Animal Health: Bill Would Restrict Antibiotic Use
A powerful state legislator in California has introduced legislation to restrict the use of antibiotics in raising livestock. As introduced, SB 416 would:
Prohibit, commencing Jan. 1, 2012, a school or school district from serving poultry and meat products treated with antibiotics to pupils.
Prohibit, commencing Jan. 1, 2015, a person from using antibiotics for non-therapeutic and prophylactic use in any animal raised for the production of any human food product.
Require state and local governments, when purchasing meat supplies, to prefer meat supplies produced without the use of medically important antibiotics as feed additives.
The legislator, Senate Majority Leader and Chair of the Food and Agriculture Committee Dean Florez, made news recently for introducing a measure that would ban tail-docking. He has often been a thorn in the side of production agriculture.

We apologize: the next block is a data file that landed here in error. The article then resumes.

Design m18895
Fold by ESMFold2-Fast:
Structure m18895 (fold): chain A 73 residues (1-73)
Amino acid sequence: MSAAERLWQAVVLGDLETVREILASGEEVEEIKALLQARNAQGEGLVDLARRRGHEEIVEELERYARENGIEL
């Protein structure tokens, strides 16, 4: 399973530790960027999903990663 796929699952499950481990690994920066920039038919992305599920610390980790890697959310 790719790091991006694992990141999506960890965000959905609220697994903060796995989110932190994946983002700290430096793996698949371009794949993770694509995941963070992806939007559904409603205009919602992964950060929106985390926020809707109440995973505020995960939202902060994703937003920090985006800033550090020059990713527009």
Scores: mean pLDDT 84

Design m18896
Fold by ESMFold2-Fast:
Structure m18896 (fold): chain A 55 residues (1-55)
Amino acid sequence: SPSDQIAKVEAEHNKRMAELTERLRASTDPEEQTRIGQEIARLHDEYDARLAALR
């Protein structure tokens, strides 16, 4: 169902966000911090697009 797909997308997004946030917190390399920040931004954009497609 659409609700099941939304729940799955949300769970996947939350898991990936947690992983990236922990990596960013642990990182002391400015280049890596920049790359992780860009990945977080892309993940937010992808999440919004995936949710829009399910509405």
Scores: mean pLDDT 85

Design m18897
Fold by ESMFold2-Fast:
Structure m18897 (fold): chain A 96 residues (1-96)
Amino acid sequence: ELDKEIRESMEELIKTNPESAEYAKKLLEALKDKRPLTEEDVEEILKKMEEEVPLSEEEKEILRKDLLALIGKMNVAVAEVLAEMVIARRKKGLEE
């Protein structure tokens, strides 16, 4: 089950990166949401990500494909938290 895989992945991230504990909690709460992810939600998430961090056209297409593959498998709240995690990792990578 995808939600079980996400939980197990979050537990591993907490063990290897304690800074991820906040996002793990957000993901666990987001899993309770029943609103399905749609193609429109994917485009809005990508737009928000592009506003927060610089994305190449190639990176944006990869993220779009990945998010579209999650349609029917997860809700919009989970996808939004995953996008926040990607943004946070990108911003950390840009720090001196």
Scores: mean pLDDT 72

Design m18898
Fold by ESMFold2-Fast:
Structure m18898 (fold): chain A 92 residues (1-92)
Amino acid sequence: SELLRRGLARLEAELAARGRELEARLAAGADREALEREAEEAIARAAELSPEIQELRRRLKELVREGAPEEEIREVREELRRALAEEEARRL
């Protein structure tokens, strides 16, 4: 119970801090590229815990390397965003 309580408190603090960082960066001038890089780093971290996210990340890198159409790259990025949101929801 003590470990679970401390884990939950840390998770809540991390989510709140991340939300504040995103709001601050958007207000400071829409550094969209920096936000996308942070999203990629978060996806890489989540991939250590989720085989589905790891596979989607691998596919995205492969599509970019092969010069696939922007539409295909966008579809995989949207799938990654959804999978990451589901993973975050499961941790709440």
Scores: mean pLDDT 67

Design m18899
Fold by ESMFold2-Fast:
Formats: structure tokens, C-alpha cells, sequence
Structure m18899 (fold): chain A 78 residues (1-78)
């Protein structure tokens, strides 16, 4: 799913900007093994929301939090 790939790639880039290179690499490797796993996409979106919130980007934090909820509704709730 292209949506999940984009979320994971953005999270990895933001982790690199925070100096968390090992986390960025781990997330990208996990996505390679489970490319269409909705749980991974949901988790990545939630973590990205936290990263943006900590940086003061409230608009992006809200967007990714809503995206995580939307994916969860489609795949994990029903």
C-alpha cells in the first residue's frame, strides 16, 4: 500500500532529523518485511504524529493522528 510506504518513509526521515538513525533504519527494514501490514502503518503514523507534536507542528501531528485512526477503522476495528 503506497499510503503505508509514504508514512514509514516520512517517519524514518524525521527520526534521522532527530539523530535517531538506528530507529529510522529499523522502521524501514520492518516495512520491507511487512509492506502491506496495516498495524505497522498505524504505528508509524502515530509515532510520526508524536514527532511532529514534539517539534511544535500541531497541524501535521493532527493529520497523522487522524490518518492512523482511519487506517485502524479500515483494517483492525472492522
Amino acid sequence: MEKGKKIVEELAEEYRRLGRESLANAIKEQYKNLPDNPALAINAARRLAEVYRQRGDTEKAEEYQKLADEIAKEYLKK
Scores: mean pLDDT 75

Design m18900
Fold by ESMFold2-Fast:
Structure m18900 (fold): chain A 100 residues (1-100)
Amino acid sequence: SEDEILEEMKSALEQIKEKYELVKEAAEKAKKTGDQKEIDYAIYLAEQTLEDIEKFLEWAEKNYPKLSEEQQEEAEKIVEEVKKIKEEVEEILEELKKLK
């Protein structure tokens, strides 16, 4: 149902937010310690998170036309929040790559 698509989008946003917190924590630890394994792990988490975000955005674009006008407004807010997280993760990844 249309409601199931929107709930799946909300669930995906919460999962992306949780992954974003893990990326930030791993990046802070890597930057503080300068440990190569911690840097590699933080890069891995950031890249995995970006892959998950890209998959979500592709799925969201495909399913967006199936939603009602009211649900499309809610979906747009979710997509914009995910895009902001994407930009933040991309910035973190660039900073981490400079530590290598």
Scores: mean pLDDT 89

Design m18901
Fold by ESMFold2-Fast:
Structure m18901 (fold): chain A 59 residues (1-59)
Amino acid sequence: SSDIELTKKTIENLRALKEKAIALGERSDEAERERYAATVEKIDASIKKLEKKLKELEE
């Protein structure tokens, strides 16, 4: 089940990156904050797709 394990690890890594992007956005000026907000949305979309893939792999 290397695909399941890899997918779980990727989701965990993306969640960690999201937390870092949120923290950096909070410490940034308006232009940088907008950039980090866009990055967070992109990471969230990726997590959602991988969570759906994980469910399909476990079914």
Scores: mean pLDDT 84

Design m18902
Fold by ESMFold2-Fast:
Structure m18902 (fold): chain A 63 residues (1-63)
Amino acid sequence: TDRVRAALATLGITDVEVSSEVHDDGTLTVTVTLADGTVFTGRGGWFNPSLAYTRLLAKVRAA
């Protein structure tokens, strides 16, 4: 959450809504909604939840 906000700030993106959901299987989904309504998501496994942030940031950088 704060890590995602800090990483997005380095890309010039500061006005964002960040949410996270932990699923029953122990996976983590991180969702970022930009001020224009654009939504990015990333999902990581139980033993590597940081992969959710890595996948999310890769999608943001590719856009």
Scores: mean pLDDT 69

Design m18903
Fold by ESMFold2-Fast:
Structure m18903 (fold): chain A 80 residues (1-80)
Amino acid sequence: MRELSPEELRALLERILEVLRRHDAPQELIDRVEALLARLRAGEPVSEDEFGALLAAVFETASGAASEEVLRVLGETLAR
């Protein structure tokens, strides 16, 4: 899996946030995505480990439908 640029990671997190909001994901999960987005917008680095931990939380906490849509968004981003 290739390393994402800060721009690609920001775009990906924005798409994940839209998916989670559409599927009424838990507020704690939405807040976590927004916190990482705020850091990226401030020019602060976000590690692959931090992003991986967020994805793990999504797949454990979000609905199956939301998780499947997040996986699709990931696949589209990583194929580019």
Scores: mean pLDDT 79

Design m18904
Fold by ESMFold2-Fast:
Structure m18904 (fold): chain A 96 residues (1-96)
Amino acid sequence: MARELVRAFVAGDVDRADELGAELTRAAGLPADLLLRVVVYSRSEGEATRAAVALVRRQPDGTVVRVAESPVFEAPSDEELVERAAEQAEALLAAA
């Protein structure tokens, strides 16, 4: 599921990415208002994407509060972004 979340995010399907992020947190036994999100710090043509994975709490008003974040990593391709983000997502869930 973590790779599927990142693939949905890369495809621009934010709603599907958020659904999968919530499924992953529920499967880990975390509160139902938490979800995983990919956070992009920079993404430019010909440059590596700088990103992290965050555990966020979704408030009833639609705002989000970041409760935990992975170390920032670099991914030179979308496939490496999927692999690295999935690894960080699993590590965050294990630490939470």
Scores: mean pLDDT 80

“We’re curious to see where Florez is going with this legislation. The majority of what he’s proposing is unconstitutional,” says Michael Marsh, chief executive officer for Western United Dairymen. Marsh said that a school in Berkeley, Calif., tried to offer only organic food to students, but the program failed because students could not afford to purchase the food.
An informational hearing to address this bill will take place on March 17.
To see a copy of the bill, click here.
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There seems to be a theme today of throwing science under the bus. So any animal that even one time in its life receives antibiotics will not be allowed into the school lunch program. This will drastically increase the expense for providing meals to children. It also encourages producers to use “hope” as a treatment for a sick animal rather than antibiotics. Obviously, there hasn’t been a lot of thought put into this bill and hopefully common sense will prevail. It’s interesting that these types of people want to give rights to animals, and at the same time, they are trying to limit producer’s options for keeping them healthy.